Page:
He pondered the following ramifications: So what if the current situation was completely reversed? What if all information was free? He vaguely remembered a story about an artist information service formerly known as "Napster."

Apparently this information service had attempted to allow individuals to exchange information for free! The gall of these troglodytes was unspeakable! Apparently, a certain group of humans would form around a common name they called a "band" and then produce various melodic information items known as "music." This was obviously a saleable item by today's standard, and most of the time the "bands" would, in fact, attempt to sell their information.

The problem ensued when a copy of previously paid information was made and then certain persons distributed the copies among people enlisting in the sharing service. Obviously, whether the copy was made or not, the "band" would have had no knowledge of the scenario and would not be put out either way. But was there an ethical issue involved?

Unlike today's standards, back then a company might try to argue a point on ethical grounds. They would try to convince the populace that their motives were purely ethical and not monetary. "Such a debacle would not be endured in our advanced society!" he thought to himself. The thought of an organization that existed to make money attempting to argue ethical points had vile consequences on his gastro-intestinal tract. It usually sent him running to the nearest waste receptacle, retching his guts out among the discarded information items of other passersby.

So was there an ethical issue at all? Obviously an information item obtained free-of-charge is an information item that is not purchased and thus deprives someone of revenue. That much had been written by the Supreme Court, Ltd. in 2341, and every school child was aware of that policy... To argue it was pointless.

Could the world exist as a completely free exchange of information and ideals? What if the instant you thought of something it became public property? He thought to himself that property is a relatively relative issue, and for the most part no one in this age considered anything to be something other than personal property. Well, he and most other school children of that time period had learned that to lose personal property rights is to lose all of your rights. And since just about all rights extend from personal property rights, at least those had to exist.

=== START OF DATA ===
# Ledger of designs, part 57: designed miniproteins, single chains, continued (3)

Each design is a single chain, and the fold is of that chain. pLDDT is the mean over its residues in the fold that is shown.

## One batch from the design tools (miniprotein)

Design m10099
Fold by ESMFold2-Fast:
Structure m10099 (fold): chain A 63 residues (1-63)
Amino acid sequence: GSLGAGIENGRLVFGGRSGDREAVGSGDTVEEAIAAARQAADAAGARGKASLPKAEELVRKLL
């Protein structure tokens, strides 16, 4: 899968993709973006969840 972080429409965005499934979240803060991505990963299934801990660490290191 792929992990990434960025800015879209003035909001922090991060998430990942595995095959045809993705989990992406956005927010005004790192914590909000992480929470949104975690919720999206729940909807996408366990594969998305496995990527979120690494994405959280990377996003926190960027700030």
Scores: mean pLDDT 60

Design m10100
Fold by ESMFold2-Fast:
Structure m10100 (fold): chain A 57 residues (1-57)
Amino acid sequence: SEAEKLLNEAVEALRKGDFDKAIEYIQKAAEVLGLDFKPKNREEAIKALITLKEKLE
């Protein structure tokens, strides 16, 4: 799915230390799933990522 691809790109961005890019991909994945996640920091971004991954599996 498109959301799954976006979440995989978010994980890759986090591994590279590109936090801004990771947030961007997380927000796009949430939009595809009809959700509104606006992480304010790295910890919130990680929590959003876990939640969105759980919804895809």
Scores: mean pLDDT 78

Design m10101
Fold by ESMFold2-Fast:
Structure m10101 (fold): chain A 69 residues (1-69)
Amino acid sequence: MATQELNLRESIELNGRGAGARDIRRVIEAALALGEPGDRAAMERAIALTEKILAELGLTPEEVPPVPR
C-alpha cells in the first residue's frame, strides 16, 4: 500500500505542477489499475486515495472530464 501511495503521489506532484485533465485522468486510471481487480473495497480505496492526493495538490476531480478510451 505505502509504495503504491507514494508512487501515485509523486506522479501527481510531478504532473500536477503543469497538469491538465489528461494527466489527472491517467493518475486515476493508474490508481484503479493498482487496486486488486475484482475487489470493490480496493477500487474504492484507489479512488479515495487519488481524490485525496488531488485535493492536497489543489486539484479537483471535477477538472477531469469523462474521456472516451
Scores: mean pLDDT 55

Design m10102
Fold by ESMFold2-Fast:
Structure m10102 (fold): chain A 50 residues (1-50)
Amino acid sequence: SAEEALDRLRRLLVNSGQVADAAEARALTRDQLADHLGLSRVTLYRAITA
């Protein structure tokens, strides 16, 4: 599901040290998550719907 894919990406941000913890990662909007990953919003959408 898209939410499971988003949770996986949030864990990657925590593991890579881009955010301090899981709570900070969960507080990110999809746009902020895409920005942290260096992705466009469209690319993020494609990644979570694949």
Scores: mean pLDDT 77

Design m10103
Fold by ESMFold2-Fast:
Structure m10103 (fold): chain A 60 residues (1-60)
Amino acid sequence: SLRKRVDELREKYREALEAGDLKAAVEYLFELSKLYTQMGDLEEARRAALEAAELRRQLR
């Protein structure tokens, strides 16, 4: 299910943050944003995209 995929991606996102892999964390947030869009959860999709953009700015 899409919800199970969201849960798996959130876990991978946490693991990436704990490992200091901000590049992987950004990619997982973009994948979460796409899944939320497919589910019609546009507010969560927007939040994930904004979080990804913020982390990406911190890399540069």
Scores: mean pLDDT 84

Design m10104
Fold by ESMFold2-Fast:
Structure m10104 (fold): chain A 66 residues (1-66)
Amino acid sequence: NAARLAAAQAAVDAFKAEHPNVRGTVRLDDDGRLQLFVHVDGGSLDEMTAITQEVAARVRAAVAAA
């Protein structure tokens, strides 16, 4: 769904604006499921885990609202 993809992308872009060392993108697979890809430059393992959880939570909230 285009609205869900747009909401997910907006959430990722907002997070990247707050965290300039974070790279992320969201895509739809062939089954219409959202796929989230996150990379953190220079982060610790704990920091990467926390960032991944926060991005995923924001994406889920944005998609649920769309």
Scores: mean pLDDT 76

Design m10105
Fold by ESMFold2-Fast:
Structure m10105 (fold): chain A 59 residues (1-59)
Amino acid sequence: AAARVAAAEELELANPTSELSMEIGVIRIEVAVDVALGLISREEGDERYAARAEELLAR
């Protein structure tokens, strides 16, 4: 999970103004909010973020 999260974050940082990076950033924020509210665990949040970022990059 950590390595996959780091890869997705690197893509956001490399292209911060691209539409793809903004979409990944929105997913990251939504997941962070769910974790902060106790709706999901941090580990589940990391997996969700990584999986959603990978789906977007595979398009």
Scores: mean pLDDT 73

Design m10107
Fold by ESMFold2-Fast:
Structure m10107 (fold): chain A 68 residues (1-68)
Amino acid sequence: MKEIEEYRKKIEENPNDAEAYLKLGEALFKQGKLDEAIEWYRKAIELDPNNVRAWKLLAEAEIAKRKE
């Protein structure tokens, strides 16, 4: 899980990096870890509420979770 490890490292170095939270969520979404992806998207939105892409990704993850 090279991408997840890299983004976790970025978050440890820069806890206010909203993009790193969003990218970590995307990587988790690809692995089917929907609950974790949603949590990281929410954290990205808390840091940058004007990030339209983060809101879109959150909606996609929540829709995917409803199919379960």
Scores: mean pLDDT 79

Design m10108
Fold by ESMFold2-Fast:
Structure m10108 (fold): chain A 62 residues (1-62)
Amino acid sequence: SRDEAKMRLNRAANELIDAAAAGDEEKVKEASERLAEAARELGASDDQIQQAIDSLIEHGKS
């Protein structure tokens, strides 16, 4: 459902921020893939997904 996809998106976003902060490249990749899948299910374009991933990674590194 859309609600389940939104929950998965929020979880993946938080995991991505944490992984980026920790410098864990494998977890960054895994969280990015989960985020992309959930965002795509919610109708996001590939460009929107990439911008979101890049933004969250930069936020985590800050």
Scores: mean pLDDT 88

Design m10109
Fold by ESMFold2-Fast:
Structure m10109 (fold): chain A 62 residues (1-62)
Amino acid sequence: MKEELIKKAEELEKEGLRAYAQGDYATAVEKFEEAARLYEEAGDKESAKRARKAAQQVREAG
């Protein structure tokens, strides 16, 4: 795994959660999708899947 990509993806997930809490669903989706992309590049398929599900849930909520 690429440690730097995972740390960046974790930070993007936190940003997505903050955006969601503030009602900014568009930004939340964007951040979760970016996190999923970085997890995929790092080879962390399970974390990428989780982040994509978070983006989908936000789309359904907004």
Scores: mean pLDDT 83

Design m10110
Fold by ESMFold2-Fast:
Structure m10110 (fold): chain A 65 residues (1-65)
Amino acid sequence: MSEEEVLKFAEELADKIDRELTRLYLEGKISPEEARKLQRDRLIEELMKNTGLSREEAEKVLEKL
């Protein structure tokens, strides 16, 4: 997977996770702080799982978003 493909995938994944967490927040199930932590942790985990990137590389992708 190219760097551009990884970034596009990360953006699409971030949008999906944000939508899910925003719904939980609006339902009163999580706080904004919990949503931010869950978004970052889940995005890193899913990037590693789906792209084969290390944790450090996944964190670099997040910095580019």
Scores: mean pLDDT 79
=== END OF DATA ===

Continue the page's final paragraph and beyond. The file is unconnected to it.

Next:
Thus reassured, he pondered, "If personal property rights were going to continue to exist, where would the solution be for this problem of the centuries?" He knew that something created of his own free will, whether it be music, software, hardware, or a book, would be his private property. To distinguish between electrons in digital formats and characters in printed formats was just silly.

To take away someone's own creations would be like the old style governments who taxed their populations in those barbaric times. So the tricky part came when he started to think about selling his creations and the virtual copies that might be made of it. Once he created a piece of music and decided to sell it, did he own all versions and all copies of that music? He decided to compare it to printed materials, which had been around forever. If he wrote a book, he would authorize a publishing company to make copies and sell it to the populace, returning a certain portion of the proceeds to himself. If someone decided to make a copy of one of his books, that would be an unauthorized copy and hence illegal. The same thing would then apply to digital materials, so any unauthorized copy made of a digital, printed, or any other type of information would be illegal and would depend upon the law for enforcement.

If someone wanted to provide free copies, then that was up to him or her, but it was a personal decision that must be made by the creator, not by an idealist trying to steal his creation. But one thing he realized was this: all information should not be charged for and all information should not be free. It was, as with most things, something personal that depended upon the originator to do the right thing.

Thus disburdened from his weighty moral issues, he decided to go back into the CCE and make whatever changes he could to bring these things about. He walked into the lobby, and the receptionist greeted him warmly. Perhaps a bit too warmly, but warmly nonetheless. "Good evening, Mr. President! Must be nice to have all of this as your very own, able to make changes in the world at will!"

"Yes and no, Howard.... Yes and no."